MHG study

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The MHG study is an interdisciplinary joint research project on the subject of sexual abuse of minors by Catholic priests, deacons and male religious in the area of ​​the German Bishops' Conference . Due to the abbreviations of the institute locations of the consortium members ( M annheim, H eidelberg, G ießen) the research project was given the acronym "MHG study". On August 28, 2013, the project was openly advertised by the Association of Dioceses of Germany (VDD). A consortium of experts from several university institutes in Germany was awarded the contract. The project duration was agreed from July 1, 2014 to December 31, 2017, later extended to September 30, 2018 due to the scope and complexity. The project was funded with a total of € 1,089,312.50 plus VAT.


One aim of the study was to record the sexual abuse of minors by Catholic priests , deacons and male religious within the area of ​​responsibility of the German Bishops' Conference in the period from 1946 to 2014.

Based on the results, 10 of the 27 German dioceses started to commission their own independent studies in different formats in spring 2020.

Consortium members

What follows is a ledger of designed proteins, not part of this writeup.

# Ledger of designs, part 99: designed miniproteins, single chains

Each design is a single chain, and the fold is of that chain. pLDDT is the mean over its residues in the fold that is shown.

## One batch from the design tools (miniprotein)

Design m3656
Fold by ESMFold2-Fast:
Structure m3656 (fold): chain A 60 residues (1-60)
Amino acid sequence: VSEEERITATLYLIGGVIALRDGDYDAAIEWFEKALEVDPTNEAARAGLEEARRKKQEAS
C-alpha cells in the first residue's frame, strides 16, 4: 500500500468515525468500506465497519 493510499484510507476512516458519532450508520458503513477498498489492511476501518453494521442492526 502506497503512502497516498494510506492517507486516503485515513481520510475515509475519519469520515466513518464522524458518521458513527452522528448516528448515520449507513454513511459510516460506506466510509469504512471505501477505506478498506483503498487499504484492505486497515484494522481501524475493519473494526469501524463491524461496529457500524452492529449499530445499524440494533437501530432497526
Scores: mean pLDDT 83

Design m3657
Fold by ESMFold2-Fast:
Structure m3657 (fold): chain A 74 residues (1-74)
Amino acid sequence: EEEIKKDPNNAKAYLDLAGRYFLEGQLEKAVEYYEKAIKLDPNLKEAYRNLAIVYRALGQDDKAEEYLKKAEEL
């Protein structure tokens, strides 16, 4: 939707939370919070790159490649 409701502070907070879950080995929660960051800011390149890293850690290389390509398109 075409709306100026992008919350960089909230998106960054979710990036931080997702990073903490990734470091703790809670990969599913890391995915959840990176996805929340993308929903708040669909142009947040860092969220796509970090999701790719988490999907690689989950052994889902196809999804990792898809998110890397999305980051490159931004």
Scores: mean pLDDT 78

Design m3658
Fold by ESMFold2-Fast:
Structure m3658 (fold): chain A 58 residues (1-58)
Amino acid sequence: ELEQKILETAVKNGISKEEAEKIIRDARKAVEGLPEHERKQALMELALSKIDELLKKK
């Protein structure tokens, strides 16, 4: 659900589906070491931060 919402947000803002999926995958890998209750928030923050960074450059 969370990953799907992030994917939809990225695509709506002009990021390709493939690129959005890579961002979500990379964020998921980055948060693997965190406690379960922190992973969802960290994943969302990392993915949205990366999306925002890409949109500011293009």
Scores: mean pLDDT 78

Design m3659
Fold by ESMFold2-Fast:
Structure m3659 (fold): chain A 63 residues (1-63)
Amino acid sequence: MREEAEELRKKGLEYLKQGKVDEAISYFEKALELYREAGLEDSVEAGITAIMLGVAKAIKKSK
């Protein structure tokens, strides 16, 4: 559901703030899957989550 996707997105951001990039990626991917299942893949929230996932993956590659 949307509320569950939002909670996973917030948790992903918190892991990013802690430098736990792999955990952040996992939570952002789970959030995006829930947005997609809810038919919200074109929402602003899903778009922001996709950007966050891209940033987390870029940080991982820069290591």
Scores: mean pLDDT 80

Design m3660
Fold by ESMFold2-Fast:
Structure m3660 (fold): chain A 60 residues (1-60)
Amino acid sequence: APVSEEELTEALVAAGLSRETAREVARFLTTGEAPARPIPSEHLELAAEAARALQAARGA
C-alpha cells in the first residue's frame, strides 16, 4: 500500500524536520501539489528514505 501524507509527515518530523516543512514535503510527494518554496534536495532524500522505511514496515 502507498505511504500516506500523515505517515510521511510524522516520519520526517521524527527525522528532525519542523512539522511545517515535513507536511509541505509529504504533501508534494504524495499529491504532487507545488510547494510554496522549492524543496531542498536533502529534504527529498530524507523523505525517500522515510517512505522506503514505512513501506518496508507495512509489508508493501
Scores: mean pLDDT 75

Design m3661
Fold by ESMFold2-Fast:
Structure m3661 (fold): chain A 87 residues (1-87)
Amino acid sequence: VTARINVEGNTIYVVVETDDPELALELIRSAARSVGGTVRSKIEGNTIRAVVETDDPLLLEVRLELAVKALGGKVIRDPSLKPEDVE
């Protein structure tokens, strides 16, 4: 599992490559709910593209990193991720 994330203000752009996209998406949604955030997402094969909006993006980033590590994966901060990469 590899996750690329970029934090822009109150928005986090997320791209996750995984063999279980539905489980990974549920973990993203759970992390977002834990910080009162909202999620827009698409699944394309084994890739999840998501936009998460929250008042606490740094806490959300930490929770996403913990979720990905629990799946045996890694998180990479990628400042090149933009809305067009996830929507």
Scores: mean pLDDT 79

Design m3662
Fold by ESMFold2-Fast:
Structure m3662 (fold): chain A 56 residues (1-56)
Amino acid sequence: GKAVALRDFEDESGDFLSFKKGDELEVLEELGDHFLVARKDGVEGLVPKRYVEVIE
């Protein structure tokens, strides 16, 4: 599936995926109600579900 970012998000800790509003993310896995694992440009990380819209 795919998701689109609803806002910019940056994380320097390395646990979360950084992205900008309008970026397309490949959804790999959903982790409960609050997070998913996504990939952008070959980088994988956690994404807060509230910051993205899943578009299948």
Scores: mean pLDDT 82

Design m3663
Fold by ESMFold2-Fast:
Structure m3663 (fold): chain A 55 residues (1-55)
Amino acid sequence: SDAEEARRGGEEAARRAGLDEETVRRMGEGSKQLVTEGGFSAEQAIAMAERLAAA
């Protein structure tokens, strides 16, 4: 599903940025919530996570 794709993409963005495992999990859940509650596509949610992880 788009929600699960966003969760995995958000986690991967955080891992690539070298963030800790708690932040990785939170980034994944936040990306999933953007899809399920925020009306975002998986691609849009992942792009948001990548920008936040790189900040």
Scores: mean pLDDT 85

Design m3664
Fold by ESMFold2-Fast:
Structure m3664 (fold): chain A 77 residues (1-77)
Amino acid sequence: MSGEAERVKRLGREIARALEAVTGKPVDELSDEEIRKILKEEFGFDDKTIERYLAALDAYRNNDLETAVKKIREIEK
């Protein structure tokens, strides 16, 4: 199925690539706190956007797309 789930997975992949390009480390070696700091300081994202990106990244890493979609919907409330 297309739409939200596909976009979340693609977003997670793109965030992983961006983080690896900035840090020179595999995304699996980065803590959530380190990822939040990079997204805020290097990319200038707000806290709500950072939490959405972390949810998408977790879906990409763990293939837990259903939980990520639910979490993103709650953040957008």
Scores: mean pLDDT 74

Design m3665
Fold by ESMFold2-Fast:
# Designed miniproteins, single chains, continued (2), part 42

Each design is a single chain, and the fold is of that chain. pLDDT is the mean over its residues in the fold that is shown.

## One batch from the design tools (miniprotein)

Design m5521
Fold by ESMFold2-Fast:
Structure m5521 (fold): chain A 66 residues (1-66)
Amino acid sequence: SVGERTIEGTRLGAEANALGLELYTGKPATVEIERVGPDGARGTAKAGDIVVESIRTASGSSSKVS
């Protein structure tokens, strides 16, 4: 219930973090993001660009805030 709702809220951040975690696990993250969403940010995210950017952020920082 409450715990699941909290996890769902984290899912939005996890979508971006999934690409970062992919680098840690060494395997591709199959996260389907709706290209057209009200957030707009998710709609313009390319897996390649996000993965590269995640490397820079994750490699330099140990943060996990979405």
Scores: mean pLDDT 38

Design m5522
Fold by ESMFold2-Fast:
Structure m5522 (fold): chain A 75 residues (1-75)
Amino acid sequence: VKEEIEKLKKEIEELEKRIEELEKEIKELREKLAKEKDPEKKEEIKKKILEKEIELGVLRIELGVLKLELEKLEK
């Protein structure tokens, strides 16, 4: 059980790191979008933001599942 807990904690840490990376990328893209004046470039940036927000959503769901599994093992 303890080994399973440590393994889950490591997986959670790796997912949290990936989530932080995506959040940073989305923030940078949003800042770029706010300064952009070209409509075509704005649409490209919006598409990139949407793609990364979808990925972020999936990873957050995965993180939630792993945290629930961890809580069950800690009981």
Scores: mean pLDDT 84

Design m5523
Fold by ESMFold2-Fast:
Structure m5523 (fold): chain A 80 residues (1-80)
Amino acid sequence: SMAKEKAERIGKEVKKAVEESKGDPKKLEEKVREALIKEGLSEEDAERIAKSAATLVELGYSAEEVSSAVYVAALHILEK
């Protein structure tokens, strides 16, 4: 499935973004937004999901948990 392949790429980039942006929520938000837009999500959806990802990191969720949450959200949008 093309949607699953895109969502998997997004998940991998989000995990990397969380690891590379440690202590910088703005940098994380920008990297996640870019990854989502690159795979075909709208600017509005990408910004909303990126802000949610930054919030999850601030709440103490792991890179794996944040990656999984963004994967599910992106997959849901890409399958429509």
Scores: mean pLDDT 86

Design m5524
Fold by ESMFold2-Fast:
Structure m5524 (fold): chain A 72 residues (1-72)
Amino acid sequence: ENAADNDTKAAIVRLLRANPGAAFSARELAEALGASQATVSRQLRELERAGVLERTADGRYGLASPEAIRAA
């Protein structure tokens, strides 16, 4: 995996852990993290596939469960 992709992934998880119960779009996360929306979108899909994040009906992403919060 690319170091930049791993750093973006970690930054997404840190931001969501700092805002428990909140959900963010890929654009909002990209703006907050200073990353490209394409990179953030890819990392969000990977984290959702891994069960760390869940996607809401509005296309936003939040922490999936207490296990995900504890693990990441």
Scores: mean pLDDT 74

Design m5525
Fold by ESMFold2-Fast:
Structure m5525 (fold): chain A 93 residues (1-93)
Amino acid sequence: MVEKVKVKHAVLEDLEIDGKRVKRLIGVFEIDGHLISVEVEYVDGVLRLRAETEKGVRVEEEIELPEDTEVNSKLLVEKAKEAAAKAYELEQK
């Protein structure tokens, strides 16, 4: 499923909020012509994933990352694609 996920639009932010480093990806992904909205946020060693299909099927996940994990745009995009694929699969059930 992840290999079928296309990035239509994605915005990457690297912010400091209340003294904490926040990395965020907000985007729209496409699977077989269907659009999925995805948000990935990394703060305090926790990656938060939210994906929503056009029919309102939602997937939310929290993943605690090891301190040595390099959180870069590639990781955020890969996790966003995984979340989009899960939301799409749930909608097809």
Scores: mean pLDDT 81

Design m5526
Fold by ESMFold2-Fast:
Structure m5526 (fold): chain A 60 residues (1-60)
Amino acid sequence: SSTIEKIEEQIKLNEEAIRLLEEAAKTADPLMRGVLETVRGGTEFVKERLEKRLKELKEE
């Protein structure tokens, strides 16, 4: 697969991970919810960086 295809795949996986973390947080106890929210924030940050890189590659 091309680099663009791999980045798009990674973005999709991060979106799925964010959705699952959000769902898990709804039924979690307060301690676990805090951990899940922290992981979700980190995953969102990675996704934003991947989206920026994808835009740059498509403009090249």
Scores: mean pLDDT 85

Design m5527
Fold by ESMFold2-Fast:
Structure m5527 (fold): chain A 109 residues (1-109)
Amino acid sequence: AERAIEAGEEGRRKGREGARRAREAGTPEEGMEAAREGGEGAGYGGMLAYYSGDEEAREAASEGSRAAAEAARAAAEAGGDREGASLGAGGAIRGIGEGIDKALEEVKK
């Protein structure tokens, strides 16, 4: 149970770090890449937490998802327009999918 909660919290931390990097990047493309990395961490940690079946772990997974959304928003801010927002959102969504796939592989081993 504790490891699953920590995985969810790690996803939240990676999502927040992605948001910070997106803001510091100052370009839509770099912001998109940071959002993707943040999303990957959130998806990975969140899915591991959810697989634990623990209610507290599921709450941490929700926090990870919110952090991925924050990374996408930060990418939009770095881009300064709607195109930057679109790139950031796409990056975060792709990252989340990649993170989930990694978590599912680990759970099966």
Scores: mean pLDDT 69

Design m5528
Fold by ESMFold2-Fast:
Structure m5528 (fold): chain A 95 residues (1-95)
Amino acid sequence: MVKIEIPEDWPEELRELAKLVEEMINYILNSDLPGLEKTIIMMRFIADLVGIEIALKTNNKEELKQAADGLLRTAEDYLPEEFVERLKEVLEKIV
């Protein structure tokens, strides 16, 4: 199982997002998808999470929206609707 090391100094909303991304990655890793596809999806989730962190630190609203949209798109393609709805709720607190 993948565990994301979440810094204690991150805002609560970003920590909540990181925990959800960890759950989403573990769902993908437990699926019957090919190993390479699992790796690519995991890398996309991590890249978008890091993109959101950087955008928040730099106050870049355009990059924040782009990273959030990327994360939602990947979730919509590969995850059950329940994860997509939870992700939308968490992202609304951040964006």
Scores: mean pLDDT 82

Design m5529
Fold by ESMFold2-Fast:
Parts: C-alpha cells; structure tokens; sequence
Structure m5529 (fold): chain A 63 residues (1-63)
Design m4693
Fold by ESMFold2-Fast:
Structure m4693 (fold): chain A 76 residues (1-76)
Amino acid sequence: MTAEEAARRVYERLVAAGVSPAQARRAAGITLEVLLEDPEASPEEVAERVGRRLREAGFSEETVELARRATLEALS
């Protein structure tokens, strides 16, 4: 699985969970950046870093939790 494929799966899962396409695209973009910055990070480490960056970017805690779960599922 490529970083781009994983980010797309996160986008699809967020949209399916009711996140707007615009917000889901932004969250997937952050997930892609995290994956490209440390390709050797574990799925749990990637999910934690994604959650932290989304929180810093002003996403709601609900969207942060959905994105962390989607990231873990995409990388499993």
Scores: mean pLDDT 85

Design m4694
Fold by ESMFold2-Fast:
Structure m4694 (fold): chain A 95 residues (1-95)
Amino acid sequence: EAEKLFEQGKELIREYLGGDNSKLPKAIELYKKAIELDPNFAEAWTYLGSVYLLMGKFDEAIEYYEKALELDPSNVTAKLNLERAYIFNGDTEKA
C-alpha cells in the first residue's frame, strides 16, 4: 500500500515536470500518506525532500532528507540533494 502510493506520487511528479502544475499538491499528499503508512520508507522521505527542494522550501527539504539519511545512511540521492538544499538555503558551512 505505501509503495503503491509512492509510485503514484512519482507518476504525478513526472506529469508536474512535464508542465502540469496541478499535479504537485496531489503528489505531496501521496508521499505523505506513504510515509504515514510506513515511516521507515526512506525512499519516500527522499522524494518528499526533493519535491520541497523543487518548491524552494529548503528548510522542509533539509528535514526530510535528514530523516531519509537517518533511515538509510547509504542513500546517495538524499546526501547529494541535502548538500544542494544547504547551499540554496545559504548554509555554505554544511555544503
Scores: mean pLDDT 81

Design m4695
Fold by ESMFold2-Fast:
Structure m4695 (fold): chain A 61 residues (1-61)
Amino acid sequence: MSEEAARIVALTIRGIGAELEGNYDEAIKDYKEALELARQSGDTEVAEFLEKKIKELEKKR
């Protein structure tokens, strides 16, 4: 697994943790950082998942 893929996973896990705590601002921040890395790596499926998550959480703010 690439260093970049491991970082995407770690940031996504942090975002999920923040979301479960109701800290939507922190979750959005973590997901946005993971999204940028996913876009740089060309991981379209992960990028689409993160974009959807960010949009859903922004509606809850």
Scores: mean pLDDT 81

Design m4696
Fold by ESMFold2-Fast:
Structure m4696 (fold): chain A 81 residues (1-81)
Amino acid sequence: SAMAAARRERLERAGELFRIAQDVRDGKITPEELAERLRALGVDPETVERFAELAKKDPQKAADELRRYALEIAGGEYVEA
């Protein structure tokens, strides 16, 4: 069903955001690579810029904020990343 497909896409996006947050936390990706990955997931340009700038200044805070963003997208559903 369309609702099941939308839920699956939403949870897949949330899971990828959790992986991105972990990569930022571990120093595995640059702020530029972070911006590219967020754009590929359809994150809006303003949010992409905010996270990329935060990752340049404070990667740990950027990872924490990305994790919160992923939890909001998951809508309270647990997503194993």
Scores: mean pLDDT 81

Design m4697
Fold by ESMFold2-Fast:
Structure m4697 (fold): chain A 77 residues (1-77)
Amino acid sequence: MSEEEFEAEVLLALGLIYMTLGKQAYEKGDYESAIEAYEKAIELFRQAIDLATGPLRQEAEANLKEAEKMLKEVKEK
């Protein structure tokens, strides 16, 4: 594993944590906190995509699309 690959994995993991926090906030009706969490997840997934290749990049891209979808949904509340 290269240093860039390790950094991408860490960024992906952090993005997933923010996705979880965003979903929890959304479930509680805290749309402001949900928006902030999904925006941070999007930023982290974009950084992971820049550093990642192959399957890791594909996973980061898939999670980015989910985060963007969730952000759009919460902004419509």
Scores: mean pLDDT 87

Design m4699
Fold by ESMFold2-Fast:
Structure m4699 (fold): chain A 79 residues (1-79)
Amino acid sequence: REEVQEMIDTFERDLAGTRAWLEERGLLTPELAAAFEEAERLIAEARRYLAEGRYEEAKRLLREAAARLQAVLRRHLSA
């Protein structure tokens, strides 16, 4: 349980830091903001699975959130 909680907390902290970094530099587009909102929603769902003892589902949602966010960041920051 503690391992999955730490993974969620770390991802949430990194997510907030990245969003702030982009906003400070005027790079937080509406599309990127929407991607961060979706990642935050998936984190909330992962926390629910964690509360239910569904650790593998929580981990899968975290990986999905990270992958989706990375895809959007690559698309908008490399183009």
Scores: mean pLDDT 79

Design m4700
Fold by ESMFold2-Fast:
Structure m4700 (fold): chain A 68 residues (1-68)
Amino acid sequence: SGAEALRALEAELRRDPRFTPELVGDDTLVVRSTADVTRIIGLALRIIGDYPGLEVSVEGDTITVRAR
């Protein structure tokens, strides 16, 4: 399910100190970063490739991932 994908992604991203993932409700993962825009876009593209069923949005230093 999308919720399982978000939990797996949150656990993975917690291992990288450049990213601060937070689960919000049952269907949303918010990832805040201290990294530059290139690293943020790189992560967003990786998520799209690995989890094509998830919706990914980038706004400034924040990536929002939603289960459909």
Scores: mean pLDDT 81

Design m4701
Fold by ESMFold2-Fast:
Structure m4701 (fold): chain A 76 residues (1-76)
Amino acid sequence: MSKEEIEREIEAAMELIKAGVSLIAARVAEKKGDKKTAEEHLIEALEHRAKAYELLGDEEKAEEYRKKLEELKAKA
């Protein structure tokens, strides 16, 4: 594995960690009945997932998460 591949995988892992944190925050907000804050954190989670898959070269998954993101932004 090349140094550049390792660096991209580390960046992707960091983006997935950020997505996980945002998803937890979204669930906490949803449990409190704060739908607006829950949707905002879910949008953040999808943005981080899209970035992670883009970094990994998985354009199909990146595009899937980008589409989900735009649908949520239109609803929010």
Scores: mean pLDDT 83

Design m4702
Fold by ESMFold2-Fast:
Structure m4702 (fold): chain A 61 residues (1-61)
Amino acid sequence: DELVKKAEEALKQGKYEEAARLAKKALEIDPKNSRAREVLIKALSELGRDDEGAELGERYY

The consortium consisted of the following members:


On September 25, 2018, the research results were presented at the autumn general assembly of the German Bishops' Conference in Fulda.

Materials used

A total of 38,156 personal files from the 27 German dioceses for the period between 1946 and 2014 were evaluated. These files used for sub-project 6 are composed as follows:

  1. the files of already accused clerics from all 27 dioceses,
  2. from ten dioceses (Bamberg, Berlin, Essen, Freiburg, Hamburg, Magdeburg, Paderborn, Speyer and Trier and subsequently Munich-Freising) all personal files,
  3. from the remaining seventeen dioceses (Aachen, Augsburg, Dresden-Meißen, Eichstätt, Erfurt, Fulda, Görlitz, Hildesheim, Cologne, Limburg, Mainz, Münster, Osnabrück, Passau, Regensburg, Rottenburg-Stuttgart and Würzburg) the personal files of all clerics who still lived in 2000, or were consecrated after 2000.